TOKYO (AP) -- Japanese are welcoming President Barack Obama's decision to visit the atomic-bombed city of Hiroshima, and those interviewed Wednesday said they aren't seeking an apology.
Even those who want one realize that such a demand would have ruled out a U.S. presidential visit.
"Of course everyone wants to hear an apology. Our families were killed," said Hiroshi Shimizu, general secretary of the Hiroshima Confederation of A-Bomb Sufferers Organizations.
"However, by setting conditions we limit world leaders from visiting, so we decided to eliminate that," he said in Tokyo. "We would first like for them to come and stand on the grounds of Hiroshima and Nagasaki and take a good look at what is in front of them and give it good thought."
The American and Japanese governments announced Tuesday that Obama would become the first sitting American president to visit Hiroshima, a city almost entirely destroyed by a U.S. atomic bomb on Aug. 6, 1945. Some 140,000 people were killed, and others have endured after-effects to this day.
The U.S. dropped a second devastating atomic bomb on the city of Nagasaki three days later. Japan announced it would surrender on Aug. 15, 1945, ending World War II.
Obama will visit Hiroshima with Japanese Prime Minister Shinzo Abe on May 27, after attending the annual Group of Seven summit in Japan.
"I don't live in Hiroshima or Nagasaki, but I am overcome with emotion when I think that someone who wants to offer understanding is finally about to arrive," said Mieko Mori, a 74-year-old woman who stopped at a memorial in Tokyo to pray for the victims.
A poll released this week by national broadcaster NHK found that 70 percent of Japanese want Obama to visit Hiroshima, and only 2 percent were opposed.
The visit is contentious in the U.S., where many believe the atomic bombs hastened the end of the war, saving countless other lives. The White House went out its way to stress Obama will not apologize.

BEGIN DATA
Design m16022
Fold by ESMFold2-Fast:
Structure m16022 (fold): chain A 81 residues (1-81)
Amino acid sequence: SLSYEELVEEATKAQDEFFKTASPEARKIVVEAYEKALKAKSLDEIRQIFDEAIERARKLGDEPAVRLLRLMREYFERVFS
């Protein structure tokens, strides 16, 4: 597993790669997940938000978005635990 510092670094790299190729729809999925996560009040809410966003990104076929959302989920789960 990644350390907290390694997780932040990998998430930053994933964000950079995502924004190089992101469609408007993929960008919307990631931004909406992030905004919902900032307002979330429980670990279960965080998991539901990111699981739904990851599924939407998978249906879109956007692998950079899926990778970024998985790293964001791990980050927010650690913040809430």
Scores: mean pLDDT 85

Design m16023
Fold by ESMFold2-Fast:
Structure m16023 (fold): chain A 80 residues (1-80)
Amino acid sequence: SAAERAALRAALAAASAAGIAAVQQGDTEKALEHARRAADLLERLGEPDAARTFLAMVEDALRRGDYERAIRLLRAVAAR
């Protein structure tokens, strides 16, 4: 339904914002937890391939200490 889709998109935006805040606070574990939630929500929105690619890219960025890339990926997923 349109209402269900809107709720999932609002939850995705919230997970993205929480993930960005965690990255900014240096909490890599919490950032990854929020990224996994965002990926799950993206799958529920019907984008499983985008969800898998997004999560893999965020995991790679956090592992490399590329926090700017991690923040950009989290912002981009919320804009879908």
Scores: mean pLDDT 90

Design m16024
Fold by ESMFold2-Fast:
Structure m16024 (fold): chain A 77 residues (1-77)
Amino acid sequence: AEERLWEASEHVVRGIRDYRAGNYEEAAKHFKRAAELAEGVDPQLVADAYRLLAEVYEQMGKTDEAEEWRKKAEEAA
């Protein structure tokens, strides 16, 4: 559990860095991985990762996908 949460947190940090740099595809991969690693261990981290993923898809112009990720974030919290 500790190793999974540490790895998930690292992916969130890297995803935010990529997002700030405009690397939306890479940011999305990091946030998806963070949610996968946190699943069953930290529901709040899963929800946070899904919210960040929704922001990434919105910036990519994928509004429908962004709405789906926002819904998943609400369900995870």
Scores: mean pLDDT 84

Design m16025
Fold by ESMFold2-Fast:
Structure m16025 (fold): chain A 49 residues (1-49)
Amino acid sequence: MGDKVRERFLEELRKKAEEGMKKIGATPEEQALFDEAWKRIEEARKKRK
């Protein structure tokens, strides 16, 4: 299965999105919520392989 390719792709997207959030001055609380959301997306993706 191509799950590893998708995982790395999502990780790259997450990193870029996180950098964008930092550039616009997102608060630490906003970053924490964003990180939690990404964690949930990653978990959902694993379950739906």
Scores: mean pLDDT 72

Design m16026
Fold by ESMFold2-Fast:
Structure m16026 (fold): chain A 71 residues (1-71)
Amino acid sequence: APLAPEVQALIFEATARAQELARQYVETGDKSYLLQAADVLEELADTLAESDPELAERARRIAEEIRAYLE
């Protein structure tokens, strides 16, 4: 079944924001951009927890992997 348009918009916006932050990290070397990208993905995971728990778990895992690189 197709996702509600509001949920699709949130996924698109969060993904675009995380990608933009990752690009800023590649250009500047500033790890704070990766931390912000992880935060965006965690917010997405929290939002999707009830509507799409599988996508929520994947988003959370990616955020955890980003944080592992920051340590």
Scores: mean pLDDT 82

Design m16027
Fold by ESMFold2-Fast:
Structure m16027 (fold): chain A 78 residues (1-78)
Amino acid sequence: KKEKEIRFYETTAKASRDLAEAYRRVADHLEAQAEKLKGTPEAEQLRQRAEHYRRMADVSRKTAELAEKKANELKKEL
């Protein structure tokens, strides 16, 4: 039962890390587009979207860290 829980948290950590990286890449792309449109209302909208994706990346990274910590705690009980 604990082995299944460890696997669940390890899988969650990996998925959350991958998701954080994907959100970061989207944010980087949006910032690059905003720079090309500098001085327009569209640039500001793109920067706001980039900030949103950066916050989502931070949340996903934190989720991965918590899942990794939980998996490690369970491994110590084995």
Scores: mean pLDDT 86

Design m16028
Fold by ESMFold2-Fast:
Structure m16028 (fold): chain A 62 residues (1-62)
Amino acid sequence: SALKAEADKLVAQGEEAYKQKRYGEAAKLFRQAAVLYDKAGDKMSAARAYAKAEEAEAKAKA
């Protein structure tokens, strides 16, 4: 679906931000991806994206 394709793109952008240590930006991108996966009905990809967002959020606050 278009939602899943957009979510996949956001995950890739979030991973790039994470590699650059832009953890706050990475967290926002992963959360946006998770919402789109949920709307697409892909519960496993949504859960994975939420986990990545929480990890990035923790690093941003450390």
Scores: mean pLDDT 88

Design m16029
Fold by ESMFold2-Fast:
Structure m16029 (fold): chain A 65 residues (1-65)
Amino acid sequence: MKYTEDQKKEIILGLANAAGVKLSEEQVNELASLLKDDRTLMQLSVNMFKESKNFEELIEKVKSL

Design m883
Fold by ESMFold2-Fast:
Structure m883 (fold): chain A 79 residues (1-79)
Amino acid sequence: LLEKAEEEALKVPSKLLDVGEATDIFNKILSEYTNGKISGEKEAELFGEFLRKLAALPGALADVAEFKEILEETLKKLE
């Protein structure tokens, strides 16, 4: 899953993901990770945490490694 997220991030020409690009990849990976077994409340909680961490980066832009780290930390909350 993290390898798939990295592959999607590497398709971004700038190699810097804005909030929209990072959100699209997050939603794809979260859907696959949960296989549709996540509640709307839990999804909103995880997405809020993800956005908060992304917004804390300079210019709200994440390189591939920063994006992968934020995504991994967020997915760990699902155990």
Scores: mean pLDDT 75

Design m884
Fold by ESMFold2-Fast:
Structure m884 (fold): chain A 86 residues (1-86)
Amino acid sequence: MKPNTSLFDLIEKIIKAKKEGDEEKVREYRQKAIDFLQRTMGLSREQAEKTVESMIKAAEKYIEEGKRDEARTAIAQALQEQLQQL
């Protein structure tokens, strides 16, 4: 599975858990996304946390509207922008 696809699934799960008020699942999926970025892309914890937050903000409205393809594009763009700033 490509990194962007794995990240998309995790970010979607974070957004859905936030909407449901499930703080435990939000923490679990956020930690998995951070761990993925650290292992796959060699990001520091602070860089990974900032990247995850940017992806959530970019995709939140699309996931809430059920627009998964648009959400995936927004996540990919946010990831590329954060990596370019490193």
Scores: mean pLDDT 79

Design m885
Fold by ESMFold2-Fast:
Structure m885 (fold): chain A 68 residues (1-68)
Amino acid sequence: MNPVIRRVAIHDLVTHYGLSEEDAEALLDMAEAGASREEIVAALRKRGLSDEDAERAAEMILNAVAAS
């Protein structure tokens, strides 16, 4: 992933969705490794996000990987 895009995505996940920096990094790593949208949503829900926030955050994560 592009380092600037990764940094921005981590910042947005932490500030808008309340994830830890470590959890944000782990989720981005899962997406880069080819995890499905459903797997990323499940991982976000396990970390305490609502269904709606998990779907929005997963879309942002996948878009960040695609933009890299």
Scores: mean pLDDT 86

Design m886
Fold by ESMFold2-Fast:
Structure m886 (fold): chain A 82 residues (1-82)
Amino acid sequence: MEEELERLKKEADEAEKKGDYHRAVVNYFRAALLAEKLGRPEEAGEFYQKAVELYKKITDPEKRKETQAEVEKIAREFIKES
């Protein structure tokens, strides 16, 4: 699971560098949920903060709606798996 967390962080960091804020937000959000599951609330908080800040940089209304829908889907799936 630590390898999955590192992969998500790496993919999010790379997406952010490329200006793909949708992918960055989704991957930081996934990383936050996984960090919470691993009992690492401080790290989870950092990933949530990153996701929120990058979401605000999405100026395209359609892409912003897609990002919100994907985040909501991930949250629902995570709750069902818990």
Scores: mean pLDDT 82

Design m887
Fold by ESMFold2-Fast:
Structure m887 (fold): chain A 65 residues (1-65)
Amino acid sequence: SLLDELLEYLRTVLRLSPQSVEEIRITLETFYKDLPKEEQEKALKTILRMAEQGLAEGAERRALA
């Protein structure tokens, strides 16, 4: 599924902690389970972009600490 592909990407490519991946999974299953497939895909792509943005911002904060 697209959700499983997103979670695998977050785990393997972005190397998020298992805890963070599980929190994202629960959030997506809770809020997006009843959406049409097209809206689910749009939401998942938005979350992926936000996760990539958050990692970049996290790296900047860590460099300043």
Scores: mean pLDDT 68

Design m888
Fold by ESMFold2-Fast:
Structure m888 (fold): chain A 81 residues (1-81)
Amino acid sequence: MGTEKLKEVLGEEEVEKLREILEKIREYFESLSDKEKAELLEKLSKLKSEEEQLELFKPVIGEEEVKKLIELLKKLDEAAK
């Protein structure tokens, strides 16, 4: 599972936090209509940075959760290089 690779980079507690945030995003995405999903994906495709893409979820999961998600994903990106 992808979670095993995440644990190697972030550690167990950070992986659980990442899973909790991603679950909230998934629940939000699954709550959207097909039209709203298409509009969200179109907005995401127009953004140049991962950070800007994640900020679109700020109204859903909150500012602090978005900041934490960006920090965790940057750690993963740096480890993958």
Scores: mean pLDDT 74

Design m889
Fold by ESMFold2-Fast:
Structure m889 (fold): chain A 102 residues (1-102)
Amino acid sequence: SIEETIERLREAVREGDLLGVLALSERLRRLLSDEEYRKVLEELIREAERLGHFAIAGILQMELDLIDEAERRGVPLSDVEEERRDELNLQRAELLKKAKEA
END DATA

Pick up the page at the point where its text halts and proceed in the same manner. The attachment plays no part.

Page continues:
Deputy National Security Adviser Ben Rhodes said Obama would "not revisit the decision to use the atomic bomb," and instead spotlight the toll of war and offer a forward-looking vision of a non-nuclear world.
"I hear America is still divided over atomic bombings, but it's been almost 71 years since the war ended, and I think it's about time Obama should be able to visit Hiroshima," said Kohachiro Hayashi, who was reading a newspaper at a Tokyo park.
"He wouldn't have been able to come in the middle of his term, but now it's almost the end, so it's like now or never," the retired teacher said.
Hayashi, 59, said asking for an apology would only cause an endless and fruitless debate over who should take blame for various wartime acts.
"We should just accept his visit as a gesture of sincerity," he said. "It's OK as long as he makes clear his commitment never to use atomic weapons. ... I hope he will learn what happened and feel a little bit of it himself while being there."
Another retired teacher said it would be rude to demand an apology.
"Japan was also trying to develop nuclear weapons," Takatsugu Sakamoto, 80, said by telephone from Nishinomiya in Osaka prefecture. "Americans were just faster. If Japan hadn't been trying, then it might make sense. And so to those who are demanding an apology, my response is: What in the world are you saying? Mr. Obama doesn't need to apologize."
Terumi Tanaka, the general secretary of the Japanese Confederation of A- and H-Bombs Sufferers Organizations, said his members want Obama to state clearly his intention to eliminate nuclear weapons.
"To me, that would be a true form of an apology," he said. "For 70 years we have said this and felt this all along, that no one should have to suffer the same thing. Answering to that wish is a true sign of an apology to us."